+The rationale behind AI95-0083 was to avoid program_error due to access of
+the subprogram ?Adjust? before elaboration. However, the same argument
+applies also to Initialize, so before AI83 it was never possibly to declare
+controlled objects in the same package specification as the type, if there
+are overriding subprograms for Initialize or Adjust. Now it is still
+impossible to declare objects, except if they are initialized with an
+aggregate expression. Apart from making Initialize less useful, it is also
+a break against the uniformity goal of Ada95.
+
+A possible solution would be to mandate that the objects subject to AI83
+should be initialized instead.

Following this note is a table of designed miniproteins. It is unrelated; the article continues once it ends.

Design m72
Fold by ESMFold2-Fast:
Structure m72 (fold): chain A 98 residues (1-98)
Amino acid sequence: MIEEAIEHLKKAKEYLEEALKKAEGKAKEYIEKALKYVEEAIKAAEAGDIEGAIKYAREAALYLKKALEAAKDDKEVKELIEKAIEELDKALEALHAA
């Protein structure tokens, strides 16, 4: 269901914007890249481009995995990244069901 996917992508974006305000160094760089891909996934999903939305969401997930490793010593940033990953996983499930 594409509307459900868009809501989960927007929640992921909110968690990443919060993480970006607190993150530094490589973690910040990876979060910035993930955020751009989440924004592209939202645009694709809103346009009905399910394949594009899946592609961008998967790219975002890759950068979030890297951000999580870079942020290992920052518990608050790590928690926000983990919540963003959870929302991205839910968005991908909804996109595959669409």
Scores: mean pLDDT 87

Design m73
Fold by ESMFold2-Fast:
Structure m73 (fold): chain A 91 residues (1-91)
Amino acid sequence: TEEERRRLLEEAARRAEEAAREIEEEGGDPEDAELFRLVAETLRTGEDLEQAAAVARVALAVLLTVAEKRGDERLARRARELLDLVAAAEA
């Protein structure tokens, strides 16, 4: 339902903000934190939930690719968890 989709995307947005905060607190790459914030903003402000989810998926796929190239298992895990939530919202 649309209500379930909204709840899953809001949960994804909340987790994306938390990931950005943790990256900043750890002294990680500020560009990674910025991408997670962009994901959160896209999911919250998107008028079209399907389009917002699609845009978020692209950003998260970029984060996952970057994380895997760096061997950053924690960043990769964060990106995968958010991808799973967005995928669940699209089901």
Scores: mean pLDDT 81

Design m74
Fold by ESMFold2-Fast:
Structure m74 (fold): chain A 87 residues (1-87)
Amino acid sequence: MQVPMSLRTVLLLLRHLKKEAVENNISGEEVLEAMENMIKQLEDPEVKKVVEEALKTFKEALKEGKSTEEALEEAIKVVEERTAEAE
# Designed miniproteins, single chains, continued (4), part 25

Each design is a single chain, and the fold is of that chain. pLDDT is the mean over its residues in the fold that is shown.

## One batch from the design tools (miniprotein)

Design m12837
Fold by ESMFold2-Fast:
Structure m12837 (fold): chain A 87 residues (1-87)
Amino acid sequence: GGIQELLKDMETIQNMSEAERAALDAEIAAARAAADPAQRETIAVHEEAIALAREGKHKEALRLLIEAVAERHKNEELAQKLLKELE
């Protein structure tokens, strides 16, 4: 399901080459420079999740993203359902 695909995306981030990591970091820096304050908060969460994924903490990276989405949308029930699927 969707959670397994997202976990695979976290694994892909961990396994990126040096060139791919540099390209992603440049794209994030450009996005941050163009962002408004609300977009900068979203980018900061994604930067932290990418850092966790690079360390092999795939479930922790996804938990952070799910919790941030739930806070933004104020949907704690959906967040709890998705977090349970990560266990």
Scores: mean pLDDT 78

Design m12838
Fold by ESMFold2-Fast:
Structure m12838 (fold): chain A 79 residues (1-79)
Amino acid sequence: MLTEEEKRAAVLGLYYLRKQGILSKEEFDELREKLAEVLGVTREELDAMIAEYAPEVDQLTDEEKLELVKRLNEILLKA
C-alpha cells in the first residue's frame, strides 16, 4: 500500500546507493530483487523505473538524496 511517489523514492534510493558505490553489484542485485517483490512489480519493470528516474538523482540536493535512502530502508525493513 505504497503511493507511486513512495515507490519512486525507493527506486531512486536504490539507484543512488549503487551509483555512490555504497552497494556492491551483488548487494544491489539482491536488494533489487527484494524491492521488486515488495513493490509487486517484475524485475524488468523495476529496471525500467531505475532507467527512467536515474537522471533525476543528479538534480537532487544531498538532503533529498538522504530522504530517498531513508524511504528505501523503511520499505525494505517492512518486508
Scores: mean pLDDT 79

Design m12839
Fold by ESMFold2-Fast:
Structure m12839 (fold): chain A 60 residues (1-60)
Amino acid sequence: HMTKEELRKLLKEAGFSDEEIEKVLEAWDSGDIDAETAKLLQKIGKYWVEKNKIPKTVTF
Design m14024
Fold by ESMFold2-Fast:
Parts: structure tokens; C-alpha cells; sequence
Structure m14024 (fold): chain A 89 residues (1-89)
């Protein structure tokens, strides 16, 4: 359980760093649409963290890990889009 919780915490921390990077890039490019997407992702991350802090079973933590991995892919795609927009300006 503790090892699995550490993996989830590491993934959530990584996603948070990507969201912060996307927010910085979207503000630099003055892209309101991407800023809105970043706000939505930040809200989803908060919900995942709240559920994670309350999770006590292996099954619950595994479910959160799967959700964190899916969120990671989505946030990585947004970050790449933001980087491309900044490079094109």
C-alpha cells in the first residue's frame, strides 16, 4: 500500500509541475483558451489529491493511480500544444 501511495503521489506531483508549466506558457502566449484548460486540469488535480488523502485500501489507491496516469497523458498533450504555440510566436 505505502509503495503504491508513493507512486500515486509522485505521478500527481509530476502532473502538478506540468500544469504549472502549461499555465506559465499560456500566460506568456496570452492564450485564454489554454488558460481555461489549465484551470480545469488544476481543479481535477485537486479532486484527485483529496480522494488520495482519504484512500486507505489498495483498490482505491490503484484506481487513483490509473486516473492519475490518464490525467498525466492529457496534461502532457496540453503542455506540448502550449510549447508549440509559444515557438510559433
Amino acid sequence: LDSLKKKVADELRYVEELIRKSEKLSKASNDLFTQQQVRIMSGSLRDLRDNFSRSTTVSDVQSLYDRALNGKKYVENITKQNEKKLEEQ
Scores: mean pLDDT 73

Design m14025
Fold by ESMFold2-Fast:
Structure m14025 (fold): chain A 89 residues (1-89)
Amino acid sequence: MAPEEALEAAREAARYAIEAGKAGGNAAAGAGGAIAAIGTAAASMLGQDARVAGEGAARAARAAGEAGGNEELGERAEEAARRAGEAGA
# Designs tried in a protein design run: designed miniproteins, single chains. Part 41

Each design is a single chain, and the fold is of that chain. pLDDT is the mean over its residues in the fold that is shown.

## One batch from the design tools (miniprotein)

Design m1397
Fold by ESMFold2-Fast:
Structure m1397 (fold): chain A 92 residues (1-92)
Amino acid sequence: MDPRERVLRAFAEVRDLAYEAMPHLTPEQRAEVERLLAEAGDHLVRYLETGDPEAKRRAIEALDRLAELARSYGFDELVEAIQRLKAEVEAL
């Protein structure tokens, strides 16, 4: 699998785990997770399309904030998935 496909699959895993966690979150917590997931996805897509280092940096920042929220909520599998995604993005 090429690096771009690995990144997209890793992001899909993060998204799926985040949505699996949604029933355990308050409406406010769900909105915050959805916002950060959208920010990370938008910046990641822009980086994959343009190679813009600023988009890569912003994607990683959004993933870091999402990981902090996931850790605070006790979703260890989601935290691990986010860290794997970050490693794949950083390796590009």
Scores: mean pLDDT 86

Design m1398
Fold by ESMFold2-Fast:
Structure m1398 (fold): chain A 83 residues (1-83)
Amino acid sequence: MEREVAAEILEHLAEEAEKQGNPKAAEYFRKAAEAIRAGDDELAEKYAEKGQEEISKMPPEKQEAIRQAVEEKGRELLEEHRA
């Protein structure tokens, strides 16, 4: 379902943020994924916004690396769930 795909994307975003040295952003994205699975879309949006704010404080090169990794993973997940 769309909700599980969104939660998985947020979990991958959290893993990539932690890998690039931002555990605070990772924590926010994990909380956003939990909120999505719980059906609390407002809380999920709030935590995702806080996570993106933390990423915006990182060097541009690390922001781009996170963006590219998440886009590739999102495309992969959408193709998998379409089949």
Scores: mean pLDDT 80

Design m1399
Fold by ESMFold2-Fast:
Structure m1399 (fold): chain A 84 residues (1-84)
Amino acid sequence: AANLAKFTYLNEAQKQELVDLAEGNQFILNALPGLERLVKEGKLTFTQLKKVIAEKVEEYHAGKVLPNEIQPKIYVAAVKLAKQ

+
+A similar problem arises regarding aggregates. 7.6(17) states that in an
+assignment statement an anonymous object is created, into which the values
+are assigned. The target is finalized, this anonymous value is assigned
+into the target, and the anonymous object is initialized. Also in this case
+seems at least two very popular compilers use the AI83, and not adjust (nor
+initialize) the anonymous object. Thus, also the anonymous object is
+created without any initialization nor adjust.
+
+In order to construct reliable abstractions in the presence of controlled
+types some predicates like those in 7.6(1) are needed. However, as written,
+the interpretation is not quite clear.
+
+Is the intent that the following statements shall be true for every
+controlled object? (YES!) (Initialize, Adjust, Finalize means, that the
+corresponding primitive operations of the controlled object are called)